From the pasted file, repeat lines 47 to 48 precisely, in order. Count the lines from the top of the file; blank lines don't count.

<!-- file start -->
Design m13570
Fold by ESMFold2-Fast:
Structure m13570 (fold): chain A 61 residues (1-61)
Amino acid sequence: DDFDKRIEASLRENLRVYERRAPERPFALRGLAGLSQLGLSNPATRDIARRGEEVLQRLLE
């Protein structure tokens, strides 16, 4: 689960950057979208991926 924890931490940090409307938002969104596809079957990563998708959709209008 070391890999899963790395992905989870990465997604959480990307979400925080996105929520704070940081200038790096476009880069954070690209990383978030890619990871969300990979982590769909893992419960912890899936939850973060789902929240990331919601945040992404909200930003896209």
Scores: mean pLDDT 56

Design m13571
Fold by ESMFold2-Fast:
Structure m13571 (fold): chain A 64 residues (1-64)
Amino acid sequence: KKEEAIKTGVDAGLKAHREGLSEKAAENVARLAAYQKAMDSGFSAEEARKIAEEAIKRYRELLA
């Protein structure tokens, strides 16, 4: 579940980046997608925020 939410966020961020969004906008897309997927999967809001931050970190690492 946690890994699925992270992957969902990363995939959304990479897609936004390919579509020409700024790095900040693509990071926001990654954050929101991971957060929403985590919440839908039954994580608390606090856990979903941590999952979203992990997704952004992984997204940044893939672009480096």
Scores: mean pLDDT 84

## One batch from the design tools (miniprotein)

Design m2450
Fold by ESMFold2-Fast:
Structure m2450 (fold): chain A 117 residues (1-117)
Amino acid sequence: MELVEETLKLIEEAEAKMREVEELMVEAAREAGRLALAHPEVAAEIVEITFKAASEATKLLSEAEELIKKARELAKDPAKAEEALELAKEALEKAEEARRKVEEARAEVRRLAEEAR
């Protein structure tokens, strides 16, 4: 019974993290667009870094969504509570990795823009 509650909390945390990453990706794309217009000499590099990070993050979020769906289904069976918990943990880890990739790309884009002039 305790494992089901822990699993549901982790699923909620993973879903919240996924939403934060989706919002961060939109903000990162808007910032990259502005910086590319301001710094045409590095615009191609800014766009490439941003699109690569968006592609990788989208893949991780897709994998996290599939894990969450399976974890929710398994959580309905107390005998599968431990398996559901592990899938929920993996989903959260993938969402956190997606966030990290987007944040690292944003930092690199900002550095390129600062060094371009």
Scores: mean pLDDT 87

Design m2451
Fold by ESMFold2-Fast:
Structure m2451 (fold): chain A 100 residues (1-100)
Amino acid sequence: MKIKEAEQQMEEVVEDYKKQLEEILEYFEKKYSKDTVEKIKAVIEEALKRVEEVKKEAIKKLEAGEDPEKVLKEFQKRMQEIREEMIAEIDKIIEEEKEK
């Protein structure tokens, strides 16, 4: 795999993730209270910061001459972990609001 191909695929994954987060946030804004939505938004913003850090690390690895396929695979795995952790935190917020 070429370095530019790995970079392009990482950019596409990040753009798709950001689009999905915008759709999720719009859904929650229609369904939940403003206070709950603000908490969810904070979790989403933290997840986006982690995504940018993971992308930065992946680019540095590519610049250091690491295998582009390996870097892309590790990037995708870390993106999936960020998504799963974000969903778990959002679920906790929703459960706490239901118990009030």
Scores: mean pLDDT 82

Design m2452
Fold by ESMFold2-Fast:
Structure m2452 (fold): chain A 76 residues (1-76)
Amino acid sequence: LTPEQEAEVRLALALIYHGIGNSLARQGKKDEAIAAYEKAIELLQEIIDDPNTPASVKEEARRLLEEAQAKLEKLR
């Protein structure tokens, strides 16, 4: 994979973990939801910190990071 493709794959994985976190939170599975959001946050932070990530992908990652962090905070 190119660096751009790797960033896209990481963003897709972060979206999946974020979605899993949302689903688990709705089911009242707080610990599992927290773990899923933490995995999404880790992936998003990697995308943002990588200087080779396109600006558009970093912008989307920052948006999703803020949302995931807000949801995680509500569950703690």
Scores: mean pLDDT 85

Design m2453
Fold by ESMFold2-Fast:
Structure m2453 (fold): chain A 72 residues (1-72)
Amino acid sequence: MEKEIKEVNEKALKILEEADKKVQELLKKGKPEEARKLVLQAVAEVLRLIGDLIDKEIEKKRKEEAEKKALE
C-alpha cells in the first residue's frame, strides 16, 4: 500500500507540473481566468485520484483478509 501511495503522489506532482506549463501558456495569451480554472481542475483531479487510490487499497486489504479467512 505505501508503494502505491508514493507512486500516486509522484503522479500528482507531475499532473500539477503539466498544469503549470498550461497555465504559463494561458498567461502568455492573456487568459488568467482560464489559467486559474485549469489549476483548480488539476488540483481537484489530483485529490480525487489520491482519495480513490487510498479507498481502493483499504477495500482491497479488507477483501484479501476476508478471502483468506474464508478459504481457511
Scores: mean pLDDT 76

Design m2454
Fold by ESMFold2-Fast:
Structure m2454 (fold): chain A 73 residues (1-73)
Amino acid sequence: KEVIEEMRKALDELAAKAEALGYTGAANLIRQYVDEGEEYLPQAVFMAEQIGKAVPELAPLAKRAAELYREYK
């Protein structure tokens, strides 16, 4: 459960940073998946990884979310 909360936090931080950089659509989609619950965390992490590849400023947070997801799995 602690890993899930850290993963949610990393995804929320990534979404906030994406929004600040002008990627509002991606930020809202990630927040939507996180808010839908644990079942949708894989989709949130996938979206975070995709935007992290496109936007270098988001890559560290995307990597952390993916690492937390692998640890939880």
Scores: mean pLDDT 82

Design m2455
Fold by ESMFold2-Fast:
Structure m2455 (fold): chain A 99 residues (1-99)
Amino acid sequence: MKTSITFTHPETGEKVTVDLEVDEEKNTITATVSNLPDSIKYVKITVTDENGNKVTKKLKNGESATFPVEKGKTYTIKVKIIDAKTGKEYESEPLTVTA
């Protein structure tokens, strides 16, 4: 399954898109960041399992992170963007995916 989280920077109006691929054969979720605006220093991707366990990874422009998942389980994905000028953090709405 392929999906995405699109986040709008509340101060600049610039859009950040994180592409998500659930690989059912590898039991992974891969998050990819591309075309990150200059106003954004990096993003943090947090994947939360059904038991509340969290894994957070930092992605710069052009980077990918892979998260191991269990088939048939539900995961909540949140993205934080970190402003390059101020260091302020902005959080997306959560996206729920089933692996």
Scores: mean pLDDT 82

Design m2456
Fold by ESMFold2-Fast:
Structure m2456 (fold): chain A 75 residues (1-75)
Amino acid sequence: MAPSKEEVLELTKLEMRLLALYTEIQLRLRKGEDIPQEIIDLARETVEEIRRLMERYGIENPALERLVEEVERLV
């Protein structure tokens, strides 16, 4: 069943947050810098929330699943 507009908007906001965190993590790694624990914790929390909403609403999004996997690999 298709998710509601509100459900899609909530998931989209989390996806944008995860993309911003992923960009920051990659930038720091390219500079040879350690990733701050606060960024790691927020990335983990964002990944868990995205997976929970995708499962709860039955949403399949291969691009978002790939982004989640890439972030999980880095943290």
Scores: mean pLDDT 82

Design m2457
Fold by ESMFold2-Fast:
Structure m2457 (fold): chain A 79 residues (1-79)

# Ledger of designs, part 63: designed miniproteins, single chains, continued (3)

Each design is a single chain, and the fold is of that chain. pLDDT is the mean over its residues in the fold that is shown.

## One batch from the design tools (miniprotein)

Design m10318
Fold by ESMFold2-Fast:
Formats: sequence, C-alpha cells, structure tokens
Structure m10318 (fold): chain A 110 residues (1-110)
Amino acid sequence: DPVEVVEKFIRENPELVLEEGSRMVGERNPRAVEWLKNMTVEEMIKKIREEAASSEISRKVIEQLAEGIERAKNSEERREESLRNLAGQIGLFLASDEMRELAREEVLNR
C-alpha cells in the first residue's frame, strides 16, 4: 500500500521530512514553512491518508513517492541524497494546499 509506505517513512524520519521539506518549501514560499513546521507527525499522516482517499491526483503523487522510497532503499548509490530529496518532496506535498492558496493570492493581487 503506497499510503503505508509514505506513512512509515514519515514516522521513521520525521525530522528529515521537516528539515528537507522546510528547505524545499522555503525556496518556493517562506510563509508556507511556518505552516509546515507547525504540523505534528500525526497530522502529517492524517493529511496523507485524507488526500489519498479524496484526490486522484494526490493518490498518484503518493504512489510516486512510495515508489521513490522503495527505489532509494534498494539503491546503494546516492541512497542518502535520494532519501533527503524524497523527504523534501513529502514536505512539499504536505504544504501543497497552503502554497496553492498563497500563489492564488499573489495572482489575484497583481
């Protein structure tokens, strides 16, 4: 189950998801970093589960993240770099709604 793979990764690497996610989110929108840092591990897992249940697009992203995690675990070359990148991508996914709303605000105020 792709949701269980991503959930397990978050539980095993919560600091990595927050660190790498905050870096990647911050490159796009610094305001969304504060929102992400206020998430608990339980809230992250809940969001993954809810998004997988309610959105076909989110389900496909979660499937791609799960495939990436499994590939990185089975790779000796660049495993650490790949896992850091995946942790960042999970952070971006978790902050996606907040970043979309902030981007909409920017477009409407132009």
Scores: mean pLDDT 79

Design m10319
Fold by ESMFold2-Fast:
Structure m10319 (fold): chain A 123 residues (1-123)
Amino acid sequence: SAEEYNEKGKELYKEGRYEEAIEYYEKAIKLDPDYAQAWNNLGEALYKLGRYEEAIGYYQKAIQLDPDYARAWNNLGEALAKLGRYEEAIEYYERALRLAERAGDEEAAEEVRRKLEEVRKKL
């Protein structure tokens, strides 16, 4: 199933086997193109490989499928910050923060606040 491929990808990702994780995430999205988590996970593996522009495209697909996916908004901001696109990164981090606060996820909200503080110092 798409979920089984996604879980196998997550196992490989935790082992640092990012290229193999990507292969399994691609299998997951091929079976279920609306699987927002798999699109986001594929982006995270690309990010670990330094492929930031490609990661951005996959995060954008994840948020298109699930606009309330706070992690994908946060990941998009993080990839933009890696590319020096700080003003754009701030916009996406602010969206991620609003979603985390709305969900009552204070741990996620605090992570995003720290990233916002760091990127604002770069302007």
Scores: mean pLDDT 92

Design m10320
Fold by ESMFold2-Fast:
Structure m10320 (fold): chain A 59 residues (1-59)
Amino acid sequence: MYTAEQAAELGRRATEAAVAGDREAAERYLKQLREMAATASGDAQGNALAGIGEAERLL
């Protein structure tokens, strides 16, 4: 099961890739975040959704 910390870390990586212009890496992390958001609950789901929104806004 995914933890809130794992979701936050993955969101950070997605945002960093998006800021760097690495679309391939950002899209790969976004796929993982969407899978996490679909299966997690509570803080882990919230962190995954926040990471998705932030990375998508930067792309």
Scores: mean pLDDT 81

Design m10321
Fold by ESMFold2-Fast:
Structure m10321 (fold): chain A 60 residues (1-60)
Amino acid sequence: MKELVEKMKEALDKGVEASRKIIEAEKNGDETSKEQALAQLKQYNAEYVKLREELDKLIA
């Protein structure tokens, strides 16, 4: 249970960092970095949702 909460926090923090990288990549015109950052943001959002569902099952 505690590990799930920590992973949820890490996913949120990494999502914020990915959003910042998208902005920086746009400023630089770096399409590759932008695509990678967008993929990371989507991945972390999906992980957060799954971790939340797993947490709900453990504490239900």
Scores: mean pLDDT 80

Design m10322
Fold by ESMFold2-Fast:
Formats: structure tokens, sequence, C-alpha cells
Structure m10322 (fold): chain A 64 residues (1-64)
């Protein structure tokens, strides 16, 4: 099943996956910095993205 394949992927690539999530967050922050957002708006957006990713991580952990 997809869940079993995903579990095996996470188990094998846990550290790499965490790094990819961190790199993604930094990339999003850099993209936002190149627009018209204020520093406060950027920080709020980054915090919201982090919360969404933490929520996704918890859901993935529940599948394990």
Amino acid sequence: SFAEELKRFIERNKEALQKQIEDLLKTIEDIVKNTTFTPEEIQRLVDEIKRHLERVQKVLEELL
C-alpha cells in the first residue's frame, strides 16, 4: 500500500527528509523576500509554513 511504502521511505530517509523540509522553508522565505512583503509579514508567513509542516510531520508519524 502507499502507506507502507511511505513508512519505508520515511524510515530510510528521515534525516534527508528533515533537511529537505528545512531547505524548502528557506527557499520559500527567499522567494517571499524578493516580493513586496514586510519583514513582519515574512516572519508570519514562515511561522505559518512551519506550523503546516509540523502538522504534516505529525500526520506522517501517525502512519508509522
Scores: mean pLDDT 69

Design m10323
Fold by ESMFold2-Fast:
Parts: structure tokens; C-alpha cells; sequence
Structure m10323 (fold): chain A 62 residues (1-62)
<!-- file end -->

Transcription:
Amino acid sequence: MKTSITFTHPETGEKVTVDLEVDEEKNTITATVSNLPDSIKYVKITVTDENGNKVTKKLKNGESATFPVEKGKTYTIKVKIIDAKTGKEYESEPLTVTA
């Protein structure tokens, strides 16, 4: 399954898109960041399992992170963007995916 989280920077109006691929054969979720605006220093991707366990990874422009998942389980994905000028953090709405 392929999906995405699109986040709008509340101060600049610039859009950040994180592409998500659930690989059912590898039991992974891969998050990819591309075309990150200059106003954004990096993003943090947090994947939360059904038991509340969290894994957070930092992605710069052009980077990918892979998260191991269990088939048939539900995961909540949140993205934080970190402003390059101020260091302020902005959080997306959560996206729920089933692996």